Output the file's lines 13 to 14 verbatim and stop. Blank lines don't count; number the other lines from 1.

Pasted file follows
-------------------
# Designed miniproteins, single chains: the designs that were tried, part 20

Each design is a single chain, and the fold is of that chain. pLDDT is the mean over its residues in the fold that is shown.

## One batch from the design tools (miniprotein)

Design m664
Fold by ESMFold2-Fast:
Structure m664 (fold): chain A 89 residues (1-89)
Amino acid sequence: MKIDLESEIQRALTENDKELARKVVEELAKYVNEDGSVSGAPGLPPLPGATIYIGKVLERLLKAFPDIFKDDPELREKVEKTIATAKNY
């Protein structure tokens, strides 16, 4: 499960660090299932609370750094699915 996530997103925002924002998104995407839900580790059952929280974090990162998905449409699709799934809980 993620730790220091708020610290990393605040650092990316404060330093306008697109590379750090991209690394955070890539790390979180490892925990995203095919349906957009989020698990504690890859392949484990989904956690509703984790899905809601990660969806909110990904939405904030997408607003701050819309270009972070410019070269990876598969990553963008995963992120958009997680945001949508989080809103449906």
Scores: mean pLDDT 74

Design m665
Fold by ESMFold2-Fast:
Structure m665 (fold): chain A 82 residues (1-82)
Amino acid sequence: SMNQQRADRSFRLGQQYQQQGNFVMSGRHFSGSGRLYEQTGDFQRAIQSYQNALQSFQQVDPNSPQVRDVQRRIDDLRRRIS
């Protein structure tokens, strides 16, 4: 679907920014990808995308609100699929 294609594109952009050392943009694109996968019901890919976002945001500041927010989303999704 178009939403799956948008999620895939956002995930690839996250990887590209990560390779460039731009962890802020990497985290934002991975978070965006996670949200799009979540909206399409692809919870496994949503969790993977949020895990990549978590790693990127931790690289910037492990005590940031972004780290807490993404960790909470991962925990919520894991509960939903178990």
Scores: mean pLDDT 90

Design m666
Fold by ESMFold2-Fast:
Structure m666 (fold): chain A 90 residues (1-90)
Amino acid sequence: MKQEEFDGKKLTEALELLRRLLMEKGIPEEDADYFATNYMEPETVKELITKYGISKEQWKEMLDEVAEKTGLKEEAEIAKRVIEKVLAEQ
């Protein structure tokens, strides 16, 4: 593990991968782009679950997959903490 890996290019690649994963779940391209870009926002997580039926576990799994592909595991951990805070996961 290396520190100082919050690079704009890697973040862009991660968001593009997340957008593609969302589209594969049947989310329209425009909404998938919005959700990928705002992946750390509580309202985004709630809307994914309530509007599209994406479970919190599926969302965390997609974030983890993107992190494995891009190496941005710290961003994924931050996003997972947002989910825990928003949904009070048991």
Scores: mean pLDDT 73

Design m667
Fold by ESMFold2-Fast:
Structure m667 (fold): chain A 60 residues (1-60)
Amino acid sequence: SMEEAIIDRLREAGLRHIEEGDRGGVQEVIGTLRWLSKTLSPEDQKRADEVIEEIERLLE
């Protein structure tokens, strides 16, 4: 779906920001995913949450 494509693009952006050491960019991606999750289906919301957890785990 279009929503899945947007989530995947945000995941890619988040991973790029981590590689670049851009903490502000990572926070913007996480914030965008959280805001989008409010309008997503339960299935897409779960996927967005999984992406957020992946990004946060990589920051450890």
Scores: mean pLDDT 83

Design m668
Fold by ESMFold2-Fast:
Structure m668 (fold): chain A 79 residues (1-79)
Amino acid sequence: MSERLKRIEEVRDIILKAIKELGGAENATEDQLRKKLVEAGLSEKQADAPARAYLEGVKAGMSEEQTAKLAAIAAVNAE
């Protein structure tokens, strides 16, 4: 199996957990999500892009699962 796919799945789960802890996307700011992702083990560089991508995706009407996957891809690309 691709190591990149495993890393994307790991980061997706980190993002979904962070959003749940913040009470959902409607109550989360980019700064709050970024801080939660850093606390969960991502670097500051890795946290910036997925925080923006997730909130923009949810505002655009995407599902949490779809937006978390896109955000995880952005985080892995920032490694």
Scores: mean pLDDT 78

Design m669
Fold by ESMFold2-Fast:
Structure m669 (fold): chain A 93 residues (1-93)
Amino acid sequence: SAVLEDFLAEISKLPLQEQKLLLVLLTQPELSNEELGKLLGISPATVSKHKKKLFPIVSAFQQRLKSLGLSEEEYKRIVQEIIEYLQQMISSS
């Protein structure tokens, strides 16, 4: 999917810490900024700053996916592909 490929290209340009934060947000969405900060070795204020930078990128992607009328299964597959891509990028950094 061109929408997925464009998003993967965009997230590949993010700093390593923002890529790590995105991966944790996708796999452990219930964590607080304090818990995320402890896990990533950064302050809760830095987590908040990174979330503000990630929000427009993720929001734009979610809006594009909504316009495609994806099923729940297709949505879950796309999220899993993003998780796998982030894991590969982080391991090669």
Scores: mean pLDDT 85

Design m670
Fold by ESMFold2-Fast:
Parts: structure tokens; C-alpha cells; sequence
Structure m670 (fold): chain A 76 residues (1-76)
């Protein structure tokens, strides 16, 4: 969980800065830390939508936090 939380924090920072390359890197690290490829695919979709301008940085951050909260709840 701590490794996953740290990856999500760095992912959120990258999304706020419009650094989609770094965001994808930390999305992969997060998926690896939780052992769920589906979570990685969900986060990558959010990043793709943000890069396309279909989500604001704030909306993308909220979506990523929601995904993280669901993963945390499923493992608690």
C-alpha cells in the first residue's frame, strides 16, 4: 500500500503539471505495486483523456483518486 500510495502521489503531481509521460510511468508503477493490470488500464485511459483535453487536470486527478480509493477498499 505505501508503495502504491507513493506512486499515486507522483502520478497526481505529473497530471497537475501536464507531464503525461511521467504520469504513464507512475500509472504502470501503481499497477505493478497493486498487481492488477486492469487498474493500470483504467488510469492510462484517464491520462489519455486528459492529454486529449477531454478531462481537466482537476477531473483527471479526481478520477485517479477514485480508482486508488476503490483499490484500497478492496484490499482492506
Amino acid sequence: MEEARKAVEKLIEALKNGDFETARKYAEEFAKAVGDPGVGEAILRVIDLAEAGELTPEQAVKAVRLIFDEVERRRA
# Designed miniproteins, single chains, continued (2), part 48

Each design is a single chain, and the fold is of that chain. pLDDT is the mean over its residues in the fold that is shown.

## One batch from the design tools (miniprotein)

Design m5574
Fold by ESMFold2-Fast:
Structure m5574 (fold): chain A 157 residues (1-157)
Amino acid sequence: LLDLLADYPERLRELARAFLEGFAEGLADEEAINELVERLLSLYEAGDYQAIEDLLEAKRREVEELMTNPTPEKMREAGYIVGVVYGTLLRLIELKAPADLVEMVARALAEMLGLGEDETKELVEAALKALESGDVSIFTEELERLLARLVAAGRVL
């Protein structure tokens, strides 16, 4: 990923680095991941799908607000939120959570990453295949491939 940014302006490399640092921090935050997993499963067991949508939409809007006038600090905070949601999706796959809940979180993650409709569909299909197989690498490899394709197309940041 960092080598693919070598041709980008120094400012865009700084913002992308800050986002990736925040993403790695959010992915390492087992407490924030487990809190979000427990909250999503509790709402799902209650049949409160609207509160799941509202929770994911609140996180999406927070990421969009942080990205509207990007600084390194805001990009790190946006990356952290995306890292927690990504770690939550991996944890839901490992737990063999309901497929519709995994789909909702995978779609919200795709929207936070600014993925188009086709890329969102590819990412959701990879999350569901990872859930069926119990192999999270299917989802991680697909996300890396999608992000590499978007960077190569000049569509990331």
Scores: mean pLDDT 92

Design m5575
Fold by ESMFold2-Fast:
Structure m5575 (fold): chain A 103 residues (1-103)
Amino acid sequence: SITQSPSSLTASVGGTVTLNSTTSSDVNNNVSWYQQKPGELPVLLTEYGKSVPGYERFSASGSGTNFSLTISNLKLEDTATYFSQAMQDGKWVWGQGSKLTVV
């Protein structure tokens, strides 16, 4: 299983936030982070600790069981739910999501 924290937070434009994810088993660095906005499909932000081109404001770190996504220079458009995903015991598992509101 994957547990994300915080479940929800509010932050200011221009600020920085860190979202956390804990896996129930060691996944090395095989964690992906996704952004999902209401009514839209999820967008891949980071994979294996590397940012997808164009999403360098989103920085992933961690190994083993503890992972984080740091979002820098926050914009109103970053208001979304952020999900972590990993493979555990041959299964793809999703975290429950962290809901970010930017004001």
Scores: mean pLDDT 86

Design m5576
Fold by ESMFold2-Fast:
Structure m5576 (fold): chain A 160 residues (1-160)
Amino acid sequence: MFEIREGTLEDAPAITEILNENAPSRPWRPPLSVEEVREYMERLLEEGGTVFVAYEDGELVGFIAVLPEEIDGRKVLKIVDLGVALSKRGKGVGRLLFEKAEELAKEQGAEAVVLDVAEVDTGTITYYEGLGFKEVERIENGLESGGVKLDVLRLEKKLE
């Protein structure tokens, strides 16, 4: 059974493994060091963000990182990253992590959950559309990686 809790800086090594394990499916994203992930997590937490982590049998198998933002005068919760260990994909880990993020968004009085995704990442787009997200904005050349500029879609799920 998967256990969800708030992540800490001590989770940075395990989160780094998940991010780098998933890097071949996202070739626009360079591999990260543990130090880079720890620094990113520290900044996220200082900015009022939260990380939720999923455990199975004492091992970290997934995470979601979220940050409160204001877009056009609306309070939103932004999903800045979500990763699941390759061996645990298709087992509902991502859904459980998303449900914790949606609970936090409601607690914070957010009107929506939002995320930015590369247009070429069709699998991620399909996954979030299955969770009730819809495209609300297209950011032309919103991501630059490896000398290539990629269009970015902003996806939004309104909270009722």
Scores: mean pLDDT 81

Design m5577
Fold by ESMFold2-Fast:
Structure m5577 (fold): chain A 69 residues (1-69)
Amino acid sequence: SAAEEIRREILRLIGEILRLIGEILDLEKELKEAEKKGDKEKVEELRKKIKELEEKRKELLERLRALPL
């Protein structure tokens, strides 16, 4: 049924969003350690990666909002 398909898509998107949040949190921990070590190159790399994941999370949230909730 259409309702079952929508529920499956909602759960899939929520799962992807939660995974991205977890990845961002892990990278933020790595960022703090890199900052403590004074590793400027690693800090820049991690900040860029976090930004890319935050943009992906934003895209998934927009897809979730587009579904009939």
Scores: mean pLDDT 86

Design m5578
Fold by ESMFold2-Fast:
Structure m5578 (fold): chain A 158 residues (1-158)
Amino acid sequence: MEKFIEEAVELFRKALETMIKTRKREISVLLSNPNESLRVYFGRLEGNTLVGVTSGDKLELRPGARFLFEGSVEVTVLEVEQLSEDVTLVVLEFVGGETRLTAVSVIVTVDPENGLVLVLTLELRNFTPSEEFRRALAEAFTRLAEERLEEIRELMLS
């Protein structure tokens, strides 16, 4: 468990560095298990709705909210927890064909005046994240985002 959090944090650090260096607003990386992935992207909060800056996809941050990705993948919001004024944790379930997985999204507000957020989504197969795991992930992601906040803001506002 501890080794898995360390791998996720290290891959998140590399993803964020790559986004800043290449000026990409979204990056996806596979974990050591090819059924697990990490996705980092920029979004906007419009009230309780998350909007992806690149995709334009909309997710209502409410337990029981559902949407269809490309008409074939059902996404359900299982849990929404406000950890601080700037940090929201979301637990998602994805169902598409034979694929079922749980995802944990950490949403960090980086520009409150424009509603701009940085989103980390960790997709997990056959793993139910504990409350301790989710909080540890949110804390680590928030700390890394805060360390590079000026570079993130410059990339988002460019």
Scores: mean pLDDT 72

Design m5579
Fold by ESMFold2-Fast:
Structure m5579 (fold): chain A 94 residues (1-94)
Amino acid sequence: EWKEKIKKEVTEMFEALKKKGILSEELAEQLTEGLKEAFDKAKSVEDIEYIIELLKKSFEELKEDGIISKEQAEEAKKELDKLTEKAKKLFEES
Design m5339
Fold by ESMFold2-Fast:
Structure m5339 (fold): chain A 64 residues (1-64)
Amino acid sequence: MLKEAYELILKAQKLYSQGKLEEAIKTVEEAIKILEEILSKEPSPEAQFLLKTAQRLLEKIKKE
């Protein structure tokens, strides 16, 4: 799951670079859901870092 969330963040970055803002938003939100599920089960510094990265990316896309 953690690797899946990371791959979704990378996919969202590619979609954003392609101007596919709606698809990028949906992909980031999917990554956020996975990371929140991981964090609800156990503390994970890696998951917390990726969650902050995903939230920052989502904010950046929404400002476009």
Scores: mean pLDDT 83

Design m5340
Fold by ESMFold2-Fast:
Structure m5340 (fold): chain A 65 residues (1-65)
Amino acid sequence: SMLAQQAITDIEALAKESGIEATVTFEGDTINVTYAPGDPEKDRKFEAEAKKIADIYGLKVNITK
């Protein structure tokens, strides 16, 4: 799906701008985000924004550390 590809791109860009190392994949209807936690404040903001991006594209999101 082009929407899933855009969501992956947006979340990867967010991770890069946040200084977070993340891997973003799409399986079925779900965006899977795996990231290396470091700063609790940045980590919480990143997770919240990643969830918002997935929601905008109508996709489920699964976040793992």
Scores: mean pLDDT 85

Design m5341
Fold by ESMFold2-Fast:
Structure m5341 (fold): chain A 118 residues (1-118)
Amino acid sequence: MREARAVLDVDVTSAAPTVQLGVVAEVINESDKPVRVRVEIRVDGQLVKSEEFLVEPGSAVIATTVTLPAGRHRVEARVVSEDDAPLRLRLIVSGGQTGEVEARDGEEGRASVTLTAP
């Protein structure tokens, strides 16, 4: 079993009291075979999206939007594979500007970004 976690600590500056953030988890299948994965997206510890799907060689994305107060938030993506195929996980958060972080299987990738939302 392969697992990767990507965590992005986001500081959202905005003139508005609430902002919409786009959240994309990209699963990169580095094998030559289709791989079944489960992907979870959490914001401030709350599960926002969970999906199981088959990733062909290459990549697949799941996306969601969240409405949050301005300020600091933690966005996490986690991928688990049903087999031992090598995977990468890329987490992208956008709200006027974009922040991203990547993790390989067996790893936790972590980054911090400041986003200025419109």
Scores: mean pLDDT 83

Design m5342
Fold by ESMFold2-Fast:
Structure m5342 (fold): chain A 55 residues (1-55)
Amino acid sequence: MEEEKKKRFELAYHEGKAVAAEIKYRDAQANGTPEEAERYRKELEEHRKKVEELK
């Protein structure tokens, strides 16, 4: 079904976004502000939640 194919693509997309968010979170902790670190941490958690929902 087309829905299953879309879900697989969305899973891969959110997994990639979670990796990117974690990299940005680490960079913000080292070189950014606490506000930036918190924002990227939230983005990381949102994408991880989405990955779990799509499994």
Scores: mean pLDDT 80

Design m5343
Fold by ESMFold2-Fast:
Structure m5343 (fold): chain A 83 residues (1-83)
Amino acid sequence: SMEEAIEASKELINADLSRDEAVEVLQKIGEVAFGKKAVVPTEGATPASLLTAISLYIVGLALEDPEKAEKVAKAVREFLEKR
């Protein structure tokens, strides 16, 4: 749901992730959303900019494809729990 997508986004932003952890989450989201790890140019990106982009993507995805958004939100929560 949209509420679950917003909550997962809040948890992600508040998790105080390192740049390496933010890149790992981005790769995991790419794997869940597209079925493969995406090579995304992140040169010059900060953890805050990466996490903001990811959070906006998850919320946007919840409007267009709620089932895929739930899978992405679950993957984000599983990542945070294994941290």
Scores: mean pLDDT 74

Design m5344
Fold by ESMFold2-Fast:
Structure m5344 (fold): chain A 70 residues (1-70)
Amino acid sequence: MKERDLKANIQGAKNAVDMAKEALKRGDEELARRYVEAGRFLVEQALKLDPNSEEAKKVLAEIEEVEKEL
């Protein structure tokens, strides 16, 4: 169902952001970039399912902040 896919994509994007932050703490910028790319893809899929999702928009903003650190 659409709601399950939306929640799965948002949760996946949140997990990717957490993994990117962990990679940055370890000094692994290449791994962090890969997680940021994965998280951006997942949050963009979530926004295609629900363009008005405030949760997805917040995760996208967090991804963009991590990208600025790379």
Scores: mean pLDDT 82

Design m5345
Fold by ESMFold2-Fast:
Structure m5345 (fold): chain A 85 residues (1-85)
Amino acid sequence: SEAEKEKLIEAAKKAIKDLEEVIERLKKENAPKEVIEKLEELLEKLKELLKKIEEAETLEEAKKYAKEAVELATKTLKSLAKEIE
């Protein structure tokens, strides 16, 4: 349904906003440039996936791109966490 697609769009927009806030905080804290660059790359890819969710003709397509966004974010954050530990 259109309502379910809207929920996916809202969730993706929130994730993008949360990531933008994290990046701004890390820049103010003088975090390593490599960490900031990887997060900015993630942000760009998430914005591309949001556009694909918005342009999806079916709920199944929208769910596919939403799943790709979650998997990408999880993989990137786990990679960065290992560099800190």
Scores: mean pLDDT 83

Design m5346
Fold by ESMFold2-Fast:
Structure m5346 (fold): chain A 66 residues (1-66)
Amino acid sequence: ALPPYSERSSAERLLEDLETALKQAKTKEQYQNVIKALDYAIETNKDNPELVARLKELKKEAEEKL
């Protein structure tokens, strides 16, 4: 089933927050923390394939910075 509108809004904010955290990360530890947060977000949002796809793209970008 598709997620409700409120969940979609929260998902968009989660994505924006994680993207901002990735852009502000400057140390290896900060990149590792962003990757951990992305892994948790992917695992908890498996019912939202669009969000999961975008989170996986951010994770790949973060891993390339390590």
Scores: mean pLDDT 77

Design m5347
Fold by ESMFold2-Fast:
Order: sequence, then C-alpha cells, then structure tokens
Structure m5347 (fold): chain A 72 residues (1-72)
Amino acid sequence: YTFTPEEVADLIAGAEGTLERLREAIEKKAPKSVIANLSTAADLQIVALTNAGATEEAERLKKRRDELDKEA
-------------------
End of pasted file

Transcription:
Amino acid sequence: SMNQQRADRSFRLGQQYQQQGNFVMSGRHFSGSGRLYEQTGDFQRAIQSYQNALQSFQQVDPNSPQVRDVQRRIDDLRRRIS
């Protein structure tokens, strides 16, 4: 679907920014990808995308609100699929 294609594109952009050392943009694109996968019901890919976002945001500041927010989303999704 178009939403799956948008999620895939956002995930690839996250990887590209990560390779460039731009962890802020990497985290934002991975978070965006996670949200799009979540909206399409692809919870496994949503969790993977949020895990990549978590790693990127931790690289910037492990005590940031972004780290807490993404960790909470991962925990919520894991509960939903178990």